Assessing future drought risks and wheat yield losses in England

A - Papers appearing in refereed journals

Clarke, D., Hess, T. M., Haro-Monteagudo, D., Semenov, M. A. and Knox, J. W 2021. Assessing future drought risks and wheat yield losses in England. Agricultural and Forest Meteorology. 297, p. 108248. https://doi.org/10.1016/j.agrformet.2020.108248

AuthorsClarke, D., Hess, T. M., Haro-Monteagudo, D., Semenov, M. A. and Knox, J. W
Abstract

Droughts pose a major risk to agricultural production. By comparing the outputs from an ecophysiological crop model (Sirius) with four drought severity indicators (DSI), a comparative assessment of the impacts of drought risk on wheat yield losses has been evaluated under current (baseline) and two future climate scenarios. The rationale was to better understand the relative merits and limitations of each approach from the perspective of quantifying agricultural drought impacts on crop productivity. Modelled yield losses were regressed against the highest correlated variant for each DSI. A cumulative distribution function of yield loss for each scenario (baseline, near and far future) was calculated as a function of the best fitting DSI (SPEI-5July) and with the equivalent outputs from the Sirius model. Comparative analysis between the two approaches highlighted large differences in estimated yield loss attributed to drought, both in terms of magnitude and direction of change, for both the baseline and future scenario. For the baseline, the average year differences were large (0.25 t ha−1 and 1.4 t ha−1 for the DSI and Sirius approaches, respectively). However, for the dry year, baseline differences were substantial (0.7 t ha−1 and 2.7 t ha−1). For the DSI approach, future yield losses increased up to 1.25 t ha−1 and 2.8 t ha−1 (for average and dry years, respectively). In contrast, the Sirius modelling showed a reduction in future average yield loss, down from a baseline 1.4 t ha−1 to 1.0 t ha−1, and a marginal reduction for a future dry year from a baseline of 2.7 t ha−1 down to 2.6 t ha−1. The comparison highlighted the risks in adopting a DSI response function approach, particularly for estimating future drought related yield losses, where changing crop calendars and the impacts of CO2 fertilisation on yield are not incorporated. The challenge lies in integrating knowledge from DSIs to understand the onset, extent and severity of an agricultural drought with ecophysiological crop modelling to understand the yield responses and water use relations with respect to changing soil moisture conditions.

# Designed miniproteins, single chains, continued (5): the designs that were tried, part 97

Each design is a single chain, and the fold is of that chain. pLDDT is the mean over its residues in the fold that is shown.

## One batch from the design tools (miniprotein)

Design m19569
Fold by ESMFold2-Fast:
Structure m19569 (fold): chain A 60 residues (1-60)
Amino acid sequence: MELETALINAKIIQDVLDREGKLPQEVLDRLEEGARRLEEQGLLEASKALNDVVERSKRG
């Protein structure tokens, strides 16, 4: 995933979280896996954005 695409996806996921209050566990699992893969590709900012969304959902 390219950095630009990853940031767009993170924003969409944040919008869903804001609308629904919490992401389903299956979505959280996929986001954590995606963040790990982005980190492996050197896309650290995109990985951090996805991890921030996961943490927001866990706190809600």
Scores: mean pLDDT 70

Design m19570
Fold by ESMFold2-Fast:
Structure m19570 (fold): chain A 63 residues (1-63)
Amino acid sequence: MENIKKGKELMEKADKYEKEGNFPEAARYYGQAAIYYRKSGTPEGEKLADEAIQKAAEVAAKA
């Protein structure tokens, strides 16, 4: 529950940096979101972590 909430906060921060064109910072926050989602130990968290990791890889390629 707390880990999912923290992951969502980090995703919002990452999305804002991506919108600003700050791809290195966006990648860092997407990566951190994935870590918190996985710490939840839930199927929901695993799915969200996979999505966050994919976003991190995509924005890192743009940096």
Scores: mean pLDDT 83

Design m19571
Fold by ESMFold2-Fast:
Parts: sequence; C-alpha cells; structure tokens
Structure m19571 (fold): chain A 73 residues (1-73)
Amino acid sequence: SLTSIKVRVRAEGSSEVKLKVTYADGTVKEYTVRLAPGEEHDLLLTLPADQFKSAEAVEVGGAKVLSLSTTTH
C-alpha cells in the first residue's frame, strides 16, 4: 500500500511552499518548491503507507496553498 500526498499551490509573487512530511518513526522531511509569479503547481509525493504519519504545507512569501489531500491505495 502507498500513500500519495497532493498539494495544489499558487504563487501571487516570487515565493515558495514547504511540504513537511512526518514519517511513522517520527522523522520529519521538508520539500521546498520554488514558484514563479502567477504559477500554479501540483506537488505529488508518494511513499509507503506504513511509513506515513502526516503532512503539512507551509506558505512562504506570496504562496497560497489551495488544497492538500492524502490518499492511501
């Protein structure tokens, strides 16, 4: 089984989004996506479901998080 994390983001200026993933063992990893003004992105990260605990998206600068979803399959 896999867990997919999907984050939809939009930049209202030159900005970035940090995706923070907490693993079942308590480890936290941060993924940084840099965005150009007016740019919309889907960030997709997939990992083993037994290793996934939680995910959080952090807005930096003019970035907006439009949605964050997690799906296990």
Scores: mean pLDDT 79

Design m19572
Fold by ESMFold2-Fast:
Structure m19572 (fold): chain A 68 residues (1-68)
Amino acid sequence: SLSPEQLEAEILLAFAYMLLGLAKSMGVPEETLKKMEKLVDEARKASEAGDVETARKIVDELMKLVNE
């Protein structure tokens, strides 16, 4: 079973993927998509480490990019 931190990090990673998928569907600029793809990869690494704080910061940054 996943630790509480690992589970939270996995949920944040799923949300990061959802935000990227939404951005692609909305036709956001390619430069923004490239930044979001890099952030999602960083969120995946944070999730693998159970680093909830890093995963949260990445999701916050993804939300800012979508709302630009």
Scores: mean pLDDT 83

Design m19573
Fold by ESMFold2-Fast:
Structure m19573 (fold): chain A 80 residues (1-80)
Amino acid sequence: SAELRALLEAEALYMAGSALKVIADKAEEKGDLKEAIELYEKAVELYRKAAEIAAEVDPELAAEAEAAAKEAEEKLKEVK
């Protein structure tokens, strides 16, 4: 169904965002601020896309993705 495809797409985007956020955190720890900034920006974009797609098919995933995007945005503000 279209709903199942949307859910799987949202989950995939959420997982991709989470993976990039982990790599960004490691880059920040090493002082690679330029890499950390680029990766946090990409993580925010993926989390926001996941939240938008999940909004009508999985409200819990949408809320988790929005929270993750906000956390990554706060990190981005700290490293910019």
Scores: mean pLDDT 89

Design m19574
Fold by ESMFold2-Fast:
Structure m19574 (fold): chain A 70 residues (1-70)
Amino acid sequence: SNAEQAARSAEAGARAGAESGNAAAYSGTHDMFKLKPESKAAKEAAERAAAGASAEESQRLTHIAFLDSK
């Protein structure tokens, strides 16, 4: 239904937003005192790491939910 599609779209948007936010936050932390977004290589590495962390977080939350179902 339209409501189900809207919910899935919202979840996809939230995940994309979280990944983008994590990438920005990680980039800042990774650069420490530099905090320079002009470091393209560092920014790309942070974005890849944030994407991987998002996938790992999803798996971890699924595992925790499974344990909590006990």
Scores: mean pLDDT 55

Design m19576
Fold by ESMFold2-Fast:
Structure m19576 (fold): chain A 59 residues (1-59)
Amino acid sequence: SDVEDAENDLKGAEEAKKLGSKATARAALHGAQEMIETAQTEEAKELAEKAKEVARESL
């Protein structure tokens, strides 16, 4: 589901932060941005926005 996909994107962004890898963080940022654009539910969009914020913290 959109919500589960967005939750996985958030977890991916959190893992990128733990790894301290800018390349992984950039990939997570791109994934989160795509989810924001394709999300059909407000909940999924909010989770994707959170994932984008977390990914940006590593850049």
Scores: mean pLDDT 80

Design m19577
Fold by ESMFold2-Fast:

KeywordsCrop model ; Sirius ; Drought; Indices; Risk; Wheat
Year of Publication2021
JournalAgricultural and Forest Meteorology
Journal citation297, p. 108248
Digital Object Identifier (DOI)https://doi.org/10.1016/j.agrformet.2020.108248
Open accessPublished as ‘gold’ (paid) open access
FunderBiotechnology and Biological Sciences Research Council
Funder project or codeDesigning Future Wheat - WP1 - Increased efficiency and sustainability
ASSIST - Achieving Sustainable Agricultural Systems
Publisher's version
Output statusPublished
Publication dates
Online24 Nov 2020
Publication process dates
Accepted11 Nov 2020
PublisherElsevier Science Bv
ISSN0168-1923

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